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Among 50 swabs collected after the biometric registration [Figure 2], 6 samples (12%) yielded growth, of which 6 (100%) were CoNS [Table 2]. In a study, samples collected from the biometric fingerprinting devices' surface, 46% of samples were culture positive. Among the culture positives, the coagulase-negative Staphylococcus species was the most common organism to be isolated (49%), followed by Gram-positive bacilli (44%) and Gram-negative bacilli (7%).[10] Similarly, a study showed the growth of S. aureus on the biometric system.[11] The isolates identified in keyboards were used in the hospital by Bures et al., and our study showed almost the same result (CoNS).[12] Another study shows that mobile phones can spread bacterial infections.[4],[13] Blomeke et al. studied the survivability and transferability of these organisms from biometric devices and reported that most organisms are transferred in the first 10 min after they have been located onto the surfaces of the fingerprinting devices.[14] All these findings show that biometric devices harbor bacteria on them depending on their location and in a way, aid in transmitting them. The biofilm-forming ability of microorganisms offers an additional survival advantage on these objects.[3]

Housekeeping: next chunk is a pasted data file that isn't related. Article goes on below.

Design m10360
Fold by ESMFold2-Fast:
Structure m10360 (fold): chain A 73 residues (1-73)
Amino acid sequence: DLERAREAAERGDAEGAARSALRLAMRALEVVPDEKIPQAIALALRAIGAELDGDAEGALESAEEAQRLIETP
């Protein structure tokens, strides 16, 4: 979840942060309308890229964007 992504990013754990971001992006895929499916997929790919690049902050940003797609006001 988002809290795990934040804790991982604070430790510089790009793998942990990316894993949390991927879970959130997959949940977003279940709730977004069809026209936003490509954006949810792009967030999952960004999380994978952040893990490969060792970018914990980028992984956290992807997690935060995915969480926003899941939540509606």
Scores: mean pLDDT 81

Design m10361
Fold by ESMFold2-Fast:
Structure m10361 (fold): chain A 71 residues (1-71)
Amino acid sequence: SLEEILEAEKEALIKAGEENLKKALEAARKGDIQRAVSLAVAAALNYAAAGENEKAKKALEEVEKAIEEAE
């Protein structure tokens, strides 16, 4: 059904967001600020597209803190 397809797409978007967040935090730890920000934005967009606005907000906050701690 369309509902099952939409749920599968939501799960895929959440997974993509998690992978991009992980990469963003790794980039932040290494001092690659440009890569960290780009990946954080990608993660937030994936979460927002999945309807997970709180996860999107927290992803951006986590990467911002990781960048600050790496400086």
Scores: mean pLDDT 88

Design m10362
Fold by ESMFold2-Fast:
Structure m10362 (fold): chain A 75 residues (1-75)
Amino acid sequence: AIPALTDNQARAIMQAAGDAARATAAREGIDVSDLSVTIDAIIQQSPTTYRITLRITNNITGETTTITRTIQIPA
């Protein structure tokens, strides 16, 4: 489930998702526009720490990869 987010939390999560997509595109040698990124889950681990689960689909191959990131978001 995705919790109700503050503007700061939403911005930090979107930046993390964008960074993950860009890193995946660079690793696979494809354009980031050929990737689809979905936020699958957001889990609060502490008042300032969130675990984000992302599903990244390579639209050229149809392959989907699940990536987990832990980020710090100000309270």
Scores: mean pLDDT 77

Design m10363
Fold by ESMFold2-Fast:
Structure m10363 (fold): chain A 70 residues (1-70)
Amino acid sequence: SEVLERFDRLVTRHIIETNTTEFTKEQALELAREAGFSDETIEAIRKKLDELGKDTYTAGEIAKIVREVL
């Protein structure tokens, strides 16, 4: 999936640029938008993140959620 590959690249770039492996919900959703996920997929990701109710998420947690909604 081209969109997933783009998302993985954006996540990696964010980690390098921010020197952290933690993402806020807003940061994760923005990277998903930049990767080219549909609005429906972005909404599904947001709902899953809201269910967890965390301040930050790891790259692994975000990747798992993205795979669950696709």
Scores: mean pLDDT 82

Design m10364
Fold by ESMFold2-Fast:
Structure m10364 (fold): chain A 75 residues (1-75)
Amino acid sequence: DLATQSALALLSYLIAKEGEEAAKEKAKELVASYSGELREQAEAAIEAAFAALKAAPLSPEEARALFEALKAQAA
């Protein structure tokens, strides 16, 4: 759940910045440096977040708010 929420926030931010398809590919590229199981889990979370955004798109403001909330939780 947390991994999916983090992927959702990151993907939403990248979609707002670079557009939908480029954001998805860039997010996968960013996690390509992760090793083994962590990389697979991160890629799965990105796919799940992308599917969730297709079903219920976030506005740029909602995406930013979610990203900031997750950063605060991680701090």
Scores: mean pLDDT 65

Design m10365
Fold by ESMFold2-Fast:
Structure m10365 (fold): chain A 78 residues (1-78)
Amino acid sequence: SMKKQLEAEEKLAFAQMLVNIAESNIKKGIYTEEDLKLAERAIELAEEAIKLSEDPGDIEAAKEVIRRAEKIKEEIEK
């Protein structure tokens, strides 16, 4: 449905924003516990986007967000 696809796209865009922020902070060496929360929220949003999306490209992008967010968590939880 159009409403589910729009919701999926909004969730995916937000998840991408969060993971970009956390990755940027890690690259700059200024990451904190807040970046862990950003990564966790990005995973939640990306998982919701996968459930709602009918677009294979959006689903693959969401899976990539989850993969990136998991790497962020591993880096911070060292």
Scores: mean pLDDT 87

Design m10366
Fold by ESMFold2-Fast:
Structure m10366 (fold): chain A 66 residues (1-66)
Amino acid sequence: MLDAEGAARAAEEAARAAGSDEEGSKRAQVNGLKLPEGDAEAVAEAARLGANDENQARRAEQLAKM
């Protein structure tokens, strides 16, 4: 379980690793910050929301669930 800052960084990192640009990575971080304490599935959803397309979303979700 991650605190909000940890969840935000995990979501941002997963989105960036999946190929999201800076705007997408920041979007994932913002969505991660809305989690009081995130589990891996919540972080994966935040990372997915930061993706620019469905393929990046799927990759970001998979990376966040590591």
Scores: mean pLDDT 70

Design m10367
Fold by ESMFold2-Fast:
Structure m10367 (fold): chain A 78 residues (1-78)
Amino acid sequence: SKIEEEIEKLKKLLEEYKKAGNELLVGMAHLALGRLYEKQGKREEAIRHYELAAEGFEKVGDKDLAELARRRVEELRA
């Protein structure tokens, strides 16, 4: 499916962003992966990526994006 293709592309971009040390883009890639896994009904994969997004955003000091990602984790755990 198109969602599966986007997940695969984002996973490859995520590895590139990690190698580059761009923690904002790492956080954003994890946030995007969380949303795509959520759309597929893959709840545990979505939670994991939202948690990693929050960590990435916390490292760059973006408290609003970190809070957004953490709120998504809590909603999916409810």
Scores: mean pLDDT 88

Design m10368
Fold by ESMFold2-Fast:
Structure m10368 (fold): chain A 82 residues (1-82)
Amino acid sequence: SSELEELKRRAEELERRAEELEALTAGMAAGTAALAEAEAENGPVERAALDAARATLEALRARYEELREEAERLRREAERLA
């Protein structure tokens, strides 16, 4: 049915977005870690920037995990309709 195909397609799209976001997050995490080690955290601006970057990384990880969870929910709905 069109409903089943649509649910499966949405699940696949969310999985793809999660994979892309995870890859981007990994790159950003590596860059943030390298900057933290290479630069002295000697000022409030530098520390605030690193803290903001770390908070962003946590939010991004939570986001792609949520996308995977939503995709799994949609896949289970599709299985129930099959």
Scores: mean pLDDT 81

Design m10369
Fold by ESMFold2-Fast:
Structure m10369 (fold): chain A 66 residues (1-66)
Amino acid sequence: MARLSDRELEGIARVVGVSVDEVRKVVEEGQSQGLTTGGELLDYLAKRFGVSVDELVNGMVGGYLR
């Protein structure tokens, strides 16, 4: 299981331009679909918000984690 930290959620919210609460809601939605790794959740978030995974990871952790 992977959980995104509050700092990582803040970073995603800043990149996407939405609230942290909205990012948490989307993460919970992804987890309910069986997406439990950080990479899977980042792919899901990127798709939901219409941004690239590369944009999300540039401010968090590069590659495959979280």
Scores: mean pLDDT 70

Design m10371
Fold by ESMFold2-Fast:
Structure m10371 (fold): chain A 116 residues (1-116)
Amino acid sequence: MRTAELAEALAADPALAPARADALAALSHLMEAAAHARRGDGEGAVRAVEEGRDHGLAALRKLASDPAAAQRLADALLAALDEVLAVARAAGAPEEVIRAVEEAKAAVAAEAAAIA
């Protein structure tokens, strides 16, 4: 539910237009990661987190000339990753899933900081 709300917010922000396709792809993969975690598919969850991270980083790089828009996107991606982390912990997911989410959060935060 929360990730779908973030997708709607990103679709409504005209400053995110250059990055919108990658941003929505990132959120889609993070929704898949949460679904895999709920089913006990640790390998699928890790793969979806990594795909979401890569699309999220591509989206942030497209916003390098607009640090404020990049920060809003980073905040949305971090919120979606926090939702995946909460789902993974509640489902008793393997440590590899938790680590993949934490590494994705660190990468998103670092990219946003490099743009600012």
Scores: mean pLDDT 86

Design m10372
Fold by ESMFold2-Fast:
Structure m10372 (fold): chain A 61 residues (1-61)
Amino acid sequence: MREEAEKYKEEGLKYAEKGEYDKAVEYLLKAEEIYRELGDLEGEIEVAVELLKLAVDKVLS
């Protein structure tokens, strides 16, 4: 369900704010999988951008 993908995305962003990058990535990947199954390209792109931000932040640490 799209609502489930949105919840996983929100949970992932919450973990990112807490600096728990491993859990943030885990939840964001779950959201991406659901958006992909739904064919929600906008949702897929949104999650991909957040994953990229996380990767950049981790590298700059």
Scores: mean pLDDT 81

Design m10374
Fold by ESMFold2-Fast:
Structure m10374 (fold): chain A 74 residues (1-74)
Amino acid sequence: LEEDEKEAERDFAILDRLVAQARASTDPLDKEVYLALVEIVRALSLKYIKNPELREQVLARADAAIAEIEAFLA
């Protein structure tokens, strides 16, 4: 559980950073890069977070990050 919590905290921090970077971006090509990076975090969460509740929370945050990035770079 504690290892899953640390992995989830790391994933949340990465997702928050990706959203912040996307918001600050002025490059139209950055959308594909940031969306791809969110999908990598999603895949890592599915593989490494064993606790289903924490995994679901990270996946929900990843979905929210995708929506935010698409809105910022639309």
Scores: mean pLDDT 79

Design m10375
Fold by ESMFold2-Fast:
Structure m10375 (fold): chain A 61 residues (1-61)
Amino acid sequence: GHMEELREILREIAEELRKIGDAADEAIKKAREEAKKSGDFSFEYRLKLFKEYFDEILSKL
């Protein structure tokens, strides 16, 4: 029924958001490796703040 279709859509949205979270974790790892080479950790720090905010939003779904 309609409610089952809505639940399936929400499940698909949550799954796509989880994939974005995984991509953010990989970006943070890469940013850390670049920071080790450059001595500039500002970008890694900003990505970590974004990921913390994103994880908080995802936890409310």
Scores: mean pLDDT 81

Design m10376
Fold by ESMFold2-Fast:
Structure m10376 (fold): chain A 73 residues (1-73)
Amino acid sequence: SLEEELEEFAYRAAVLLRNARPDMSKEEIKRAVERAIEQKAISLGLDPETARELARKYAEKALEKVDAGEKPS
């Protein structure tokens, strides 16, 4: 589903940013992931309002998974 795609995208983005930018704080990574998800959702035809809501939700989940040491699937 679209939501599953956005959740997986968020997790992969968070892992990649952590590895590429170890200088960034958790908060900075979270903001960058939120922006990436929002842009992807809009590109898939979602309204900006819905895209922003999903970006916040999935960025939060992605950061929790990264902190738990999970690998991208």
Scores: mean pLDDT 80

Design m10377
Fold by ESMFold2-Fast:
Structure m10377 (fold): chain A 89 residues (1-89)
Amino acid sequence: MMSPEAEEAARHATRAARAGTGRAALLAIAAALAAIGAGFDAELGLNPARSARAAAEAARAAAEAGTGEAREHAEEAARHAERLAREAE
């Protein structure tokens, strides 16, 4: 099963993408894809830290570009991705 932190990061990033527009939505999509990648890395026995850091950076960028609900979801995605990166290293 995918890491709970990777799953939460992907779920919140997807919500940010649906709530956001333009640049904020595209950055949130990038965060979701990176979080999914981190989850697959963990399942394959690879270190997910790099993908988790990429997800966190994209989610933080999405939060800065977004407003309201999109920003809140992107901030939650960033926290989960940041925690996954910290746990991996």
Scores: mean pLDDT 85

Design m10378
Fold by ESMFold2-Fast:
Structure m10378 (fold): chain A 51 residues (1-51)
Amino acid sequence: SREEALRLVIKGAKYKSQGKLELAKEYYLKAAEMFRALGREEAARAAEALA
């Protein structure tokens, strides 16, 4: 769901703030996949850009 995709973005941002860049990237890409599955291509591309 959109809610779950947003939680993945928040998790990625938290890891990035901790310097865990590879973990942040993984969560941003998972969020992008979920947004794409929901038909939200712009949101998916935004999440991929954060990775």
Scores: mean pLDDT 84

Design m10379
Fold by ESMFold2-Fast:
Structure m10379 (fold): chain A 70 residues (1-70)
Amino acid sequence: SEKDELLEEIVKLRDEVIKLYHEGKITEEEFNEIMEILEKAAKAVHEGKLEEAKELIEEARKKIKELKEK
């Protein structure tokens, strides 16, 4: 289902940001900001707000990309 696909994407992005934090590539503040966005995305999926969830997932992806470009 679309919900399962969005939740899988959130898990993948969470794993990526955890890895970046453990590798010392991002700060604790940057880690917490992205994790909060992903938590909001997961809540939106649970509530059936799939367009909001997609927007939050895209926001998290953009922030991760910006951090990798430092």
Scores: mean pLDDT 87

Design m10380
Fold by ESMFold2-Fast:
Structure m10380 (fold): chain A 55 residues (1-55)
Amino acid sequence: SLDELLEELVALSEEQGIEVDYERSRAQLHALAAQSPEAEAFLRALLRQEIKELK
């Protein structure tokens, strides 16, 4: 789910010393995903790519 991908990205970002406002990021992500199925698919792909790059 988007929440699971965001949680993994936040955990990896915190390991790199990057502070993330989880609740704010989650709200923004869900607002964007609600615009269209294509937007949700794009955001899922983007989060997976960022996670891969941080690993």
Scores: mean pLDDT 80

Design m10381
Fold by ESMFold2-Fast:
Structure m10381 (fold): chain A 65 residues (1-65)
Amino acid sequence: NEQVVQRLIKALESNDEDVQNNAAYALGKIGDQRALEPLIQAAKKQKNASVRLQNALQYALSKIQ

Figure 2: Biometric registrations

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  Conclusions Top


Biometric devices may serve as vehicles for the transmission of nosocomial pathogen/microorganisms, especially among medical students and health-care workers. Strict adherence to infection control such as handwashing (soap or antiseptic agents), installing antiseptic agents near the device, disinfection of high-touch areas, and awareness will minimize the risks.

Financial support and sponsorship

This study was institutional funded.

Conflicts of interest

There are no conflicts of interest.



 
  References Top

1.
Jacobs JA, Van Ranst M. Biometric fingerprinting for visa application: Device and procedure are risk factors for infection transmission. J Travel Med 2008;15:335-43.  Back to cited text no. 1
    
2.
Suhag N, Jain A, Kaore NM. Evaluation of transient microbial flora on biomertic system as a potential source of infection in tertiary care hospital. Indian J Microbial Res 2016;3:1-4.  Back to cited text no. 2
    
3.
Kramer A, Schwebke I, Kampf G. How long do nosocomial pathogens persist on inanimate surfaces? A systematic review. BMC Infect Dis 2006;6:130.  Back to cited text no. 3
    
4.